Georgia is the latest state to become engaged in a community broadband fight with the introduction of SB 313, the Broadband Investment Equity Act.
Last week, SB 313, the Broadband Investment Equity Act, was introduced in the Georgia Senate. This bill, in essence, would create a number of barriers for communities that want to build and operate their own networks.
If passed, communities would be required to issue an RFP that traditional incumbent cable operators and telcos could bid on before building a network and have a special election so residents can either vote for or against having a project moving forward.
As told by the bill's sponsor Senate Majority Leader Chip Rogers, R-Woodstock, SB 313 will encourage private investment and level the playing field by making government entities adhere to the same rules that private companies follow when establishing communication networks.
"This bill will allow for robust competition in the communication marketplace and encourage continued economic growth throughout our state," said Rogers in a statement. "By extending our long-standing commitment to policies that encourage private investment and market-driven competition, we are putting the needs of our citizens above those of government."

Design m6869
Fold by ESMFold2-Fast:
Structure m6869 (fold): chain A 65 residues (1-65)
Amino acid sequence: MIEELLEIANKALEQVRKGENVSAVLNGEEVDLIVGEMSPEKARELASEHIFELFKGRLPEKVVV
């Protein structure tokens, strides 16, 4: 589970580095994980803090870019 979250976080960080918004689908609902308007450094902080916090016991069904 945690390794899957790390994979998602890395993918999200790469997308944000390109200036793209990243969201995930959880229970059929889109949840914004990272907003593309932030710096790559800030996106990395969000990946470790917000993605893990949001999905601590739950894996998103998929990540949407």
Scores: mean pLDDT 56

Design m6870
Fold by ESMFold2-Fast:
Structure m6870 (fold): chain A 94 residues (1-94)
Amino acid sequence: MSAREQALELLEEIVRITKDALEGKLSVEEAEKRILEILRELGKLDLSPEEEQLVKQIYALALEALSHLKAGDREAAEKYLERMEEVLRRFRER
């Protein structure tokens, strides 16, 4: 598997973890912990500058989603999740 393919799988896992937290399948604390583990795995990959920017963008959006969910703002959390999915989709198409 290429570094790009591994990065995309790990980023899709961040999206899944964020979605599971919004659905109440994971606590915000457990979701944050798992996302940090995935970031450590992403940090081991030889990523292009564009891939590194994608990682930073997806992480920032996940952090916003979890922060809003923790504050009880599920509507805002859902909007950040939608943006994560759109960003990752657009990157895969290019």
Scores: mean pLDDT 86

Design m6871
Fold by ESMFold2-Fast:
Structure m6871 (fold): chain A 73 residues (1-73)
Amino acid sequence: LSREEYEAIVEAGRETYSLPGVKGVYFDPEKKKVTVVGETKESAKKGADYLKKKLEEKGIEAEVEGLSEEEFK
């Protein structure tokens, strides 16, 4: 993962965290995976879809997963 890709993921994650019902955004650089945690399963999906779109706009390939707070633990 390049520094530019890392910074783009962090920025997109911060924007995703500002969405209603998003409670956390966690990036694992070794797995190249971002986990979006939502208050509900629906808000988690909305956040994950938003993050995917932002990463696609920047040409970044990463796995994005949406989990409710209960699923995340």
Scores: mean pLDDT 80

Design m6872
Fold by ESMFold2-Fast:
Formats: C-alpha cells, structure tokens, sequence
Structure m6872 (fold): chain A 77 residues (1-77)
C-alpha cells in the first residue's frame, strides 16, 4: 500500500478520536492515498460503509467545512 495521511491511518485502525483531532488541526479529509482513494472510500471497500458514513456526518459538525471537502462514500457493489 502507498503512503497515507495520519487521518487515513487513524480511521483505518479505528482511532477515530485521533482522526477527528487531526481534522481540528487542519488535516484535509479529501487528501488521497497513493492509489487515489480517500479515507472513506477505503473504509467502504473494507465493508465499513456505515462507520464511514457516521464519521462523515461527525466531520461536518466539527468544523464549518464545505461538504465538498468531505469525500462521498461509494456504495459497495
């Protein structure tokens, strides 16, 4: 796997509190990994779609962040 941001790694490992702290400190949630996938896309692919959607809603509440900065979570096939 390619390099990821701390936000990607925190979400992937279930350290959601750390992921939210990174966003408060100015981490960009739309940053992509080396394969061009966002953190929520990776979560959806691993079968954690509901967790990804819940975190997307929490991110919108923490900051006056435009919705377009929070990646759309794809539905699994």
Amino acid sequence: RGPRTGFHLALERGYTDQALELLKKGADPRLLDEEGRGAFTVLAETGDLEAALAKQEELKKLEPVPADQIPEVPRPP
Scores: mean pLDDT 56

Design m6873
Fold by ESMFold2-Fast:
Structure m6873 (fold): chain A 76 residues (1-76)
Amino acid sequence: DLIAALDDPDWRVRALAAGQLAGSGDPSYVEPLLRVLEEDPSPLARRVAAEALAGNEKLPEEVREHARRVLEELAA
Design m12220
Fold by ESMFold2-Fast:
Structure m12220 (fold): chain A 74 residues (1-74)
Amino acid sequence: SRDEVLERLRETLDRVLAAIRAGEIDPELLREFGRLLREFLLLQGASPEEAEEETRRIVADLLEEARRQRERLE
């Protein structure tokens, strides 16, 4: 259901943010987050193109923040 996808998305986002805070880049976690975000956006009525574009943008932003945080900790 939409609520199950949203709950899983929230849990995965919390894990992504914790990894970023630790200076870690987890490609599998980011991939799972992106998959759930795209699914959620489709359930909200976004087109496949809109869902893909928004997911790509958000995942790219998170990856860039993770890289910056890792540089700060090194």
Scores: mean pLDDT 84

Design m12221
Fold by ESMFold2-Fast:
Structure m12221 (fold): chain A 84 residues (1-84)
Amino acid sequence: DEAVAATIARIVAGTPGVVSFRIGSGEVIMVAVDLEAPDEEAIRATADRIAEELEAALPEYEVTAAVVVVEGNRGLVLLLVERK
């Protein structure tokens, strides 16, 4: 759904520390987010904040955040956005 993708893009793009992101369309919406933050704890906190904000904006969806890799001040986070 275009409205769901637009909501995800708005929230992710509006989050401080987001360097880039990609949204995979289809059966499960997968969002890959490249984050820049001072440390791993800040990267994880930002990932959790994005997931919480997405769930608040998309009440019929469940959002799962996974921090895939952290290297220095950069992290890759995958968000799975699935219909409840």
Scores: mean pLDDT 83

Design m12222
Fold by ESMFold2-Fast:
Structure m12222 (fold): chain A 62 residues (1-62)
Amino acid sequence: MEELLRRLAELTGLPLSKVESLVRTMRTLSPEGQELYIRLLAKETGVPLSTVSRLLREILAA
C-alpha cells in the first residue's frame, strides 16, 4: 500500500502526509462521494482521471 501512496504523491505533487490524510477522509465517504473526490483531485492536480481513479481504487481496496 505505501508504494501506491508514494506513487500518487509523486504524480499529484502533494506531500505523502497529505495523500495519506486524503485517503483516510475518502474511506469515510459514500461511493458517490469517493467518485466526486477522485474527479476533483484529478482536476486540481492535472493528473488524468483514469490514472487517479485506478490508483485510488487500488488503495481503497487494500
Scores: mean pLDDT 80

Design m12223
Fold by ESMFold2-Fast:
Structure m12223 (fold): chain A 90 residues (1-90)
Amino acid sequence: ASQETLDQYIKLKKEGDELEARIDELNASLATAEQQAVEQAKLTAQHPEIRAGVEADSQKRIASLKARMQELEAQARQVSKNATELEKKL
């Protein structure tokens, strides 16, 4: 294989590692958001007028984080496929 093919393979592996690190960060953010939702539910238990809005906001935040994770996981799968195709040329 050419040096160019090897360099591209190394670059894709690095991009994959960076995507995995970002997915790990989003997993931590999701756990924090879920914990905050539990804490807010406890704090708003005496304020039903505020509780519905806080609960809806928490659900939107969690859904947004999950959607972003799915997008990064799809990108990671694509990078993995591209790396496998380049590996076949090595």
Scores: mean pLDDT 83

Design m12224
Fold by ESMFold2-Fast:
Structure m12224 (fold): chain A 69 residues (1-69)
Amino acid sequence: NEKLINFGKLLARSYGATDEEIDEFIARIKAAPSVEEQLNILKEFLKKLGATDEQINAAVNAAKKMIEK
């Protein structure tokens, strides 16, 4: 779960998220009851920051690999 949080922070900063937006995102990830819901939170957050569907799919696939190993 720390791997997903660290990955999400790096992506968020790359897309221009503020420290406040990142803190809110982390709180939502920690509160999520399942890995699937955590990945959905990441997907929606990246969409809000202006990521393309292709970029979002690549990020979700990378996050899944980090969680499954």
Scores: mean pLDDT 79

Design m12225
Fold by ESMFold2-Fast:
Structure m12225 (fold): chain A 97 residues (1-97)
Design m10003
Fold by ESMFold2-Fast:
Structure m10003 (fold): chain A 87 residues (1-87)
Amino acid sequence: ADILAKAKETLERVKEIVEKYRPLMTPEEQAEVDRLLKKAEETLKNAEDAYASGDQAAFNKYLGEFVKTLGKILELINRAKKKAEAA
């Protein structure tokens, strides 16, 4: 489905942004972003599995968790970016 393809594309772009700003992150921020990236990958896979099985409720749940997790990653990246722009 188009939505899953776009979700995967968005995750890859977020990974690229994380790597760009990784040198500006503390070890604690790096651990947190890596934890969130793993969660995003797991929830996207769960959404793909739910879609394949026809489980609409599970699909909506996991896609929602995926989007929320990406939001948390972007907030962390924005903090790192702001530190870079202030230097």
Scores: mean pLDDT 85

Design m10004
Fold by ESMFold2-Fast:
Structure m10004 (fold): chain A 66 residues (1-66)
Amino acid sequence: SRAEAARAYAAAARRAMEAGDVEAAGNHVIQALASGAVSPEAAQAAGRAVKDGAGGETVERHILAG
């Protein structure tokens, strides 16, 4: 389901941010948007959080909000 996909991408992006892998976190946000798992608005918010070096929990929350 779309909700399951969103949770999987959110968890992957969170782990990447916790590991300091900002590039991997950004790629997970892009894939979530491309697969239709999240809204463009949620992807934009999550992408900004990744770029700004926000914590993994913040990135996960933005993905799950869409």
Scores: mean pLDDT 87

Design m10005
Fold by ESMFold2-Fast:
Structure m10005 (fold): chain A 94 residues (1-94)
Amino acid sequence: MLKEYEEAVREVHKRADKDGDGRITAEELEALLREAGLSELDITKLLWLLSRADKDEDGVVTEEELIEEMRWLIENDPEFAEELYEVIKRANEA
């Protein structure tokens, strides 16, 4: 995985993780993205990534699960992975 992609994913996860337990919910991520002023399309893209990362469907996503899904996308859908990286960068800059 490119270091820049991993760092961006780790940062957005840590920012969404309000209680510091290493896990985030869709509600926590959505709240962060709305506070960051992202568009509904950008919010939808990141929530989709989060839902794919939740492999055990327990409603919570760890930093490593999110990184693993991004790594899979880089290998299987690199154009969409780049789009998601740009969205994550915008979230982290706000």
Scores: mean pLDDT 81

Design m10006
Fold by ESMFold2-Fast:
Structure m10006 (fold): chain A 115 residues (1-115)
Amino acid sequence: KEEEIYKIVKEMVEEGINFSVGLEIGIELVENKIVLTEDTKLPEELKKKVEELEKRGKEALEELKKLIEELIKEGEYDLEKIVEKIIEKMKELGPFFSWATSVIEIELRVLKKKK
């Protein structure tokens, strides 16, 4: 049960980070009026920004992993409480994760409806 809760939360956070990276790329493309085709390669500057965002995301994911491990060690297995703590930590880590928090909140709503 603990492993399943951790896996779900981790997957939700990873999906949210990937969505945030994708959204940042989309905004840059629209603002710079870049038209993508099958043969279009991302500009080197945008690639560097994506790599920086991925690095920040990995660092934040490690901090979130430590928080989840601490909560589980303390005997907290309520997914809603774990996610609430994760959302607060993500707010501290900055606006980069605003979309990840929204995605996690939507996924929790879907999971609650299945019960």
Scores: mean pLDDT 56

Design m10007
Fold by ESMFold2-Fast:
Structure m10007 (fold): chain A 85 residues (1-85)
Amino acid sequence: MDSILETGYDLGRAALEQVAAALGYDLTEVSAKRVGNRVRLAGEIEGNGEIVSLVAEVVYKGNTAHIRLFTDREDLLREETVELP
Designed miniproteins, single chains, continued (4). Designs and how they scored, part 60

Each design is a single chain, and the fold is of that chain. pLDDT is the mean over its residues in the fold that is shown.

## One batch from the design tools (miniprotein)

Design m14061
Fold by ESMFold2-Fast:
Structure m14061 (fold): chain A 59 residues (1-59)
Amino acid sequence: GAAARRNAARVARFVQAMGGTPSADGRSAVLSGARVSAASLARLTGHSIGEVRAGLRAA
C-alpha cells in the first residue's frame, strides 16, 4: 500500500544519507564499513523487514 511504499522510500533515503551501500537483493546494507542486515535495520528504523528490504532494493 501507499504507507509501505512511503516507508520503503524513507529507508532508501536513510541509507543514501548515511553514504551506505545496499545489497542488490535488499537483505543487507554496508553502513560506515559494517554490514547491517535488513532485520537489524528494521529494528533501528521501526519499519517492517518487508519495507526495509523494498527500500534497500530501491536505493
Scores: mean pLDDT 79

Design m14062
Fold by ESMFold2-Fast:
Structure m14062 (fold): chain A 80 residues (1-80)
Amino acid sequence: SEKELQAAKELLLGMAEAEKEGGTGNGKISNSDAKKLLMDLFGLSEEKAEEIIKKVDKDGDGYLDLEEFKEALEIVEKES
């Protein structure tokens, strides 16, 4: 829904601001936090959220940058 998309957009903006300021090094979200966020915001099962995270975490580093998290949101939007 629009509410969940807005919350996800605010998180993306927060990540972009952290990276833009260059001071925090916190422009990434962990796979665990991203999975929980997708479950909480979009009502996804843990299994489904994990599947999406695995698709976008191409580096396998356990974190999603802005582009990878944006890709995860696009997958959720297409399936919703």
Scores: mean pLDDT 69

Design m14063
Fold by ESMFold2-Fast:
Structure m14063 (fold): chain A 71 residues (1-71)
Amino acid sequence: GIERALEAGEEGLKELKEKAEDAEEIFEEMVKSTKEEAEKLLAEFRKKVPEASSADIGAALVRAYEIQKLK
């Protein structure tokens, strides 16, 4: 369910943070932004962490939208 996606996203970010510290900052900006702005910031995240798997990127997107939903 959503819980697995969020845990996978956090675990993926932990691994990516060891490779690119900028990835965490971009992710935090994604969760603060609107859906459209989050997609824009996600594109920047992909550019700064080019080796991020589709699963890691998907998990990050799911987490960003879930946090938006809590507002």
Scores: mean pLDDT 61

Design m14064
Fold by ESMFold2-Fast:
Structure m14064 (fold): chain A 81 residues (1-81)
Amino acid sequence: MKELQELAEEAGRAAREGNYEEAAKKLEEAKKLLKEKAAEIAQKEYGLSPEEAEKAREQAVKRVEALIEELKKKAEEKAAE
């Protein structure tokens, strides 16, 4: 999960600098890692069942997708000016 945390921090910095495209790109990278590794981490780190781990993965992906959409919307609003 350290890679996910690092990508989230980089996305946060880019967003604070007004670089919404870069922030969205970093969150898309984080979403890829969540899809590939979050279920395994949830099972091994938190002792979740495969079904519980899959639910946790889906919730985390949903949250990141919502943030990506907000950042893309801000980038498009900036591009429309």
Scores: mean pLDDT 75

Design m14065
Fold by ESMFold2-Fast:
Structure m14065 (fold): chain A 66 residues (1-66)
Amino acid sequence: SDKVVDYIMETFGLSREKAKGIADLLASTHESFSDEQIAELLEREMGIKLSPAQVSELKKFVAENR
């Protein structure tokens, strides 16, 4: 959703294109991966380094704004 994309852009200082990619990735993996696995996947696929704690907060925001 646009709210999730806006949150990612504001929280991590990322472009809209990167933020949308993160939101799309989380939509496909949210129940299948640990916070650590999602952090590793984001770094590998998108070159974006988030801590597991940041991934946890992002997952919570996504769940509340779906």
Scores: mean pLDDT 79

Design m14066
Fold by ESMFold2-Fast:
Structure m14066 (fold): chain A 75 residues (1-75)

Christopher Mitchell, a director of the Telecommunications as Commons Initiative for the Institute for Local Self-Reliance and a well known critic of proposals like SB 313, thinks that if the bill were to become a law it would enable large incumbents to tie up any community network with expensive legal challenges.
Georgia, of course, is not the only state that's been grappling with the anti-community broadband bills as similar bills have been proposed in North Carolina and Tennessee with heavy backing from incumbent service providers like CenturyLink (NYSE: CTL) and AT&T (NYSE: T).
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